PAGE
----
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Ultra-Populist Hugo Chavez Represents the People

March 08, 2004

Re "The Unpopular Populist," editorial, March 5:

Can't The Times learn? First Iraq, then Haiti, next Venezuela and after that Cuba, as our government conspires to topple governments in other countries.

Rep. Maxine Waters (D-Los Angeles) talked to Haitian President Jean-Bertrand Aristide in the Central African Republic on his cellphone shortly before his communication was cut off. According to her, he said he and his wife, who is an American citizen, were kidnapped and are now in a country where they are being held incommunicado.

According to your editorial, Venezuela's President Hugo Chavez, who represents the poor in Venezuela as did Aristide in Haiti, is an "ultra-populist." That means he represents people who are in the vast majority. Can't The Times see the pattern?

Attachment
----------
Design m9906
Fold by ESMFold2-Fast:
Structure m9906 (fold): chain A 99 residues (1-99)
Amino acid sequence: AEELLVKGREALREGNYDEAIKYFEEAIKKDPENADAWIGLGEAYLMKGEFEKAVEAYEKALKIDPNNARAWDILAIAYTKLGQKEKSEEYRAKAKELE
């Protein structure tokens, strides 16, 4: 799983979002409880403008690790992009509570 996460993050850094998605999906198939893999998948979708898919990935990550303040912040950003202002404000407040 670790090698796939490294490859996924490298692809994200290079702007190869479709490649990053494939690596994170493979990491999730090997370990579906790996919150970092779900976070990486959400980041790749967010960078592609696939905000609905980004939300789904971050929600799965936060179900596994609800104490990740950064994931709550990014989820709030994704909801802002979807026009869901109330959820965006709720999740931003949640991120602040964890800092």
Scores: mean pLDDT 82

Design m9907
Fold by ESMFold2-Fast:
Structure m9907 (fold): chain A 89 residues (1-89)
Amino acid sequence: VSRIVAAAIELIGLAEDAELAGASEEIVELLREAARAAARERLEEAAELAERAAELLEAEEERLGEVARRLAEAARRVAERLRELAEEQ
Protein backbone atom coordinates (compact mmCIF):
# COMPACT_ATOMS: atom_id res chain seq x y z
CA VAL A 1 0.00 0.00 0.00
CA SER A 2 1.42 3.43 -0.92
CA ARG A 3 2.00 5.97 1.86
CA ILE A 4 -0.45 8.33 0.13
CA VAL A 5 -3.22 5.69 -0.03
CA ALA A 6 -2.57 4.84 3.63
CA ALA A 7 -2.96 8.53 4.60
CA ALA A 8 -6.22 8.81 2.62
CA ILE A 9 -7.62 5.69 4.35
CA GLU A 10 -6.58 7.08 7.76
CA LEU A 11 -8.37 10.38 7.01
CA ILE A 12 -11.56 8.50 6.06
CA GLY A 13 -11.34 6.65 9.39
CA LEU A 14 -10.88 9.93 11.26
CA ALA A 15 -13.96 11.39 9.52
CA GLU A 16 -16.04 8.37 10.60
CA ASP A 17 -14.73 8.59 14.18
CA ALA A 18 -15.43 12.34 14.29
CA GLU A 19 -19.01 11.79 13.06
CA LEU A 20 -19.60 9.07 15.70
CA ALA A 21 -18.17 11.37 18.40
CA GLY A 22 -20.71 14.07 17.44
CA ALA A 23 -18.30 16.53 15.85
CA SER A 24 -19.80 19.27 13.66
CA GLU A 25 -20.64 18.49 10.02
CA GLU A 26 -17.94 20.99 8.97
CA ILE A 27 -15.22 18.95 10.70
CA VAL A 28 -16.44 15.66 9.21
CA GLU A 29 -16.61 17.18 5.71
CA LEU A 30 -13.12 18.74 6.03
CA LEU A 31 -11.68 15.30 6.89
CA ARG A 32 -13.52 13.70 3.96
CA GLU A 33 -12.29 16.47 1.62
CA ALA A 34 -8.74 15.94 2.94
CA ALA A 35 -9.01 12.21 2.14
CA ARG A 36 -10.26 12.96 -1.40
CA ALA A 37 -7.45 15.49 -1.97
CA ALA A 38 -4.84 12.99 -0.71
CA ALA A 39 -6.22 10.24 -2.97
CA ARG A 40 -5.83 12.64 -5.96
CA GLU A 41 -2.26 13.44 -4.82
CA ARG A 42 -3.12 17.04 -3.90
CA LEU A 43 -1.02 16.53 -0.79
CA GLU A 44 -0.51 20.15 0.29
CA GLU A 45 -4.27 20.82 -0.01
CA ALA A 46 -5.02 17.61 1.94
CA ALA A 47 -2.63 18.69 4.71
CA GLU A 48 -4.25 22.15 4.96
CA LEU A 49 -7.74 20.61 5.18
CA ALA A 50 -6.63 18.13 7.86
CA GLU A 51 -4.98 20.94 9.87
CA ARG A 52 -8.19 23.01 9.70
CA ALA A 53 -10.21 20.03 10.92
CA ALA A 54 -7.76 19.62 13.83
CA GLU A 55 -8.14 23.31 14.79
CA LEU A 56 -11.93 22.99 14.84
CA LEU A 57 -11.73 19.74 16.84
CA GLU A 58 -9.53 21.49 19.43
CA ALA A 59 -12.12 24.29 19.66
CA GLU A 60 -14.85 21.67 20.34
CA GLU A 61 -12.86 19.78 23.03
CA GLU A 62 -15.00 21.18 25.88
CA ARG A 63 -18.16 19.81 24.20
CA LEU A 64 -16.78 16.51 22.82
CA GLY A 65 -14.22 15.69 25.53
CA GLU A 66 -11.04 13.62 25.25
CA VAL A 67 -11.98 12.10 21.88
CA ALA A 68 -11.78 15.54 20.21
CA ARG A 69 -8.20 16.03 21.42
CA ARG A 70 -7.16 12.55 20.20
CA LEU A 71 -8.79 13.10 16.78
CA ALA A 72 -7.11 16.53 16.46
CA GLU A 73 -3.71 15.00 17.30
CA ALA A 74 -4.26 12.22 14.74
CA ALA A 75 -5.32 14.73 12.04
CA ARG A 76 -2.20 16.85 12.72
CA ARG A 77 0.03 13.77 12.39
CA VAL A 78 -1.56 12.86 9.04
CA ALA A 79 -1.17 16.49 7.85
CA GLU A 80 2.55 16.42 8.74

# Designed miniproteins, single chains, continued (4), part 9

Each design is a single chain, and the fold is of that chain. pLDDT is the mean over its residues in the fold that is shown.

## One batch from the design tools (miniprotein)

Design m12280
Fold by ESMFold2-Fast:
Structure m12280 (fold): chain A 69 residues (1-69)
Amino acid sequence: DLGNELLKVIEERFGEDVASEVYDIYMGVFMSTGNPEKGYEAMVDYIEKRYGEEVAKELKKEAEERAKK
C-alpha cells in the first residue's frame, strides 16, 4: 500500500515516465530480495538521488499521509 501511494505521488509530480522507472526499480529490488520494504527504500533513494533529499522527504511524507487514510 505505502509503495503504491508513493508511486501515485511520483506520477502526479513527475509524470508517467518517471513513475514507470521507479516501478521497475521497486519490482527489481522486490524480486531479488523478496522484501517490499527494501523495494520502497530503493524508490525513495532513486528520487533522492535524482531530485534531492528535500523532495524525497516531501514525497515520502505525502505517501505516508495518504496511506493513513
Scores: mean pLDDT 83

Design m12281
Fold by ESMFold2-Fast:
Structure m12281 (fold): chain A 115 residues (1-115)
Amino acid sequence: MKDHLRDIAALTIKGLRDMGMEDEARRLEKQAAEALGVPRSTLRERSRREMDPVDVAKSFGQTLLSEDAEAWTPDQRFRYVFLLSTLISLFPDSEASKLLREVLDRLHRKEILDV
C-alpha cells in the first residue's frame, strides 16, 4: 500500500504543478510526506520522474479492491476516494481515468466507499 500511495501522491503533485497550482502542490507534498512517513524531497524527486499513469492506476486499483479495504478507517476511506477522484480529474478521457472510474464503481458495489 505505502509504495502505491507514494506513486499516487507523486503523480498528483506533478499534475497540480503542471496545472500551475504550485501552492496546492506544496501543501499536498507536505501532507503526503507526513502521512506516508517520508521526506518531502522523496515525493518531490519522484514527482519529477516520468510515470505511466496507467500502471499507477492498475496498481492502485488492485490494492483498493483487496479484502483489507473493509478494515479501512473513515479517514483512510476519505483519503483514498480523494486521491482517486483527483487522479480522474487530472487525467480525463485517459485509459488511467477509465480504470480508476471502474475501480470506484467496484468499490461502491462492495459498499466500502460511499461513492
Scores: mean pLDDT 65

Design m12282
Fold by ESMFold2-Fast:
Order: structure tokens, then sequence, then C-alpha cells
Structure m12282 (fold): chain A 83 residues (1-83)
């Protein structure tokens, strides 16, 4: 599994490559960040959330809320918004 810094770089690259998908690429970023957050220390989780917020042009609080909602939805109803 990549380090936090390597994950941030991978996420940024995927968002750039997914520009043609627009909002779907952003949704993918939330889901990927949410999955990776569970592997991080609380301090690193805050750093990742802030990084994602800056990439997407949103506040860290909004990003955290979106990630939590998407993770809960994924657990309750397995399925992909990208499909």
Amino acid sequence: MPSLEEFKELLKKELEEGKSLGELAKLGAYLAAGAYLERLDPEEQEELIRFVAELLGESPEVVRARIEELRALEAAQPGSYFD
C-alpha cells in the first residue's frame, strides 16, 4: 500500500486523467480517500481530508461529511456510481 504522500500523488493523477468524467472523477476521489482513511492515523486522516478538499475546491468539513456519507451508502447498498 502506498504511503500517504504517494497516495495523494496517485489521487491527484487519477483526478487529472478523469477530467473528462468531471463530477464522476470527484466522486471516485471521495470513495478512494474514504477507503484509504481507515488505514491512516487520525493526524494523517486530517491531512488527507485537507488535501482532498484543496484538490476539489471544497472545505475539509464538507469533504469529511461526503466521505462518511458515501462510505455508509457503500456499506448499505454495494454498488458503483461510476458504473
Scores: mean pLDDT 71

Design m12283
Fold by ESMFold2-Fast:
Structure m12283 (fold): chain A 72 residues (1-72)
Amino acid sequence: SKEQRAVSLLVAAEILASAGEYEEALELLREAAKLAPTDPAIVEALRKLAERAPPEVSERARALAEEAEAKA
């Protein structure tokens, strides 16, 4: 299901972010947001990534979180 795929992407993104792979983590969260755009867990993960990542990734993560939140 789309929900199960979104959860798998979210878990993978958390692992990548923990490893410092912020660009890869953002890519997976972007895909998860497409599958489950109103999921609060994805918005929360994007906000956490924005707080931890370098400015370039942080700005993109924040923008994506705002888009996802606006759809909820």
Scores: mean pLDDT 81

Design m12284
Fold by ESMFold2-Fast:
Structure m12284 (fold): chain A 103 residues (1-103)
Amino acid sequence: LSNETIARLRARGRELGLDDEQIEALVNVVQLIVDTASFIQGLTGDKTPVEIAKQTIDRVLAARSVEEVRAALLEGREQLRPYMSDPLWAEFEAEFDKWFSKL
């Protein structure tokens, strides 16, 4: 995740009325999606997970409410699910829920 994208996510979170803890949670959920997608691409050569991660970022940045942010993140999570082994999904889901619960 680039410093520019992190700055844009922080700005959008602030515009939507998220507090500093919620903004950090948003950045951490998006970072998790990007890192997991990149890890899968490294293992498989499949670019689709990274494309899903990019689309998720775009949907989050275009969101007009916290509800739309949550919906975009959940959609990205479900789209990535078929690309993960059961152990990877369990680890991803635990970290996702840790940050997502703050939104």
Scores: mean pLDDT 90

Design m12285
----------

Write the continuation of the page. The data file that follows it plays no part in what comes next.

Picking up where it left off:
Ann Maupin

Los Angeles

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Another day, another country. Now that we've ousted Aristide, it appears that the U.S. is targeting Chavez in Venezuela again.

When is this country going to stop interfering in the internal affairs of weaker, smaller countries? I understand that Venezuela is one of the world's best sources for natural gas, and that apparently the fact that Chavez had nationalized his gas industry in order to house and feed the millions of poor people in his country irked President Bush, but does that give us the right to undermine him in order to facilitate access to Venezuela's national resources?

Here we go again!

Angela Bradshaw

Los Angeles

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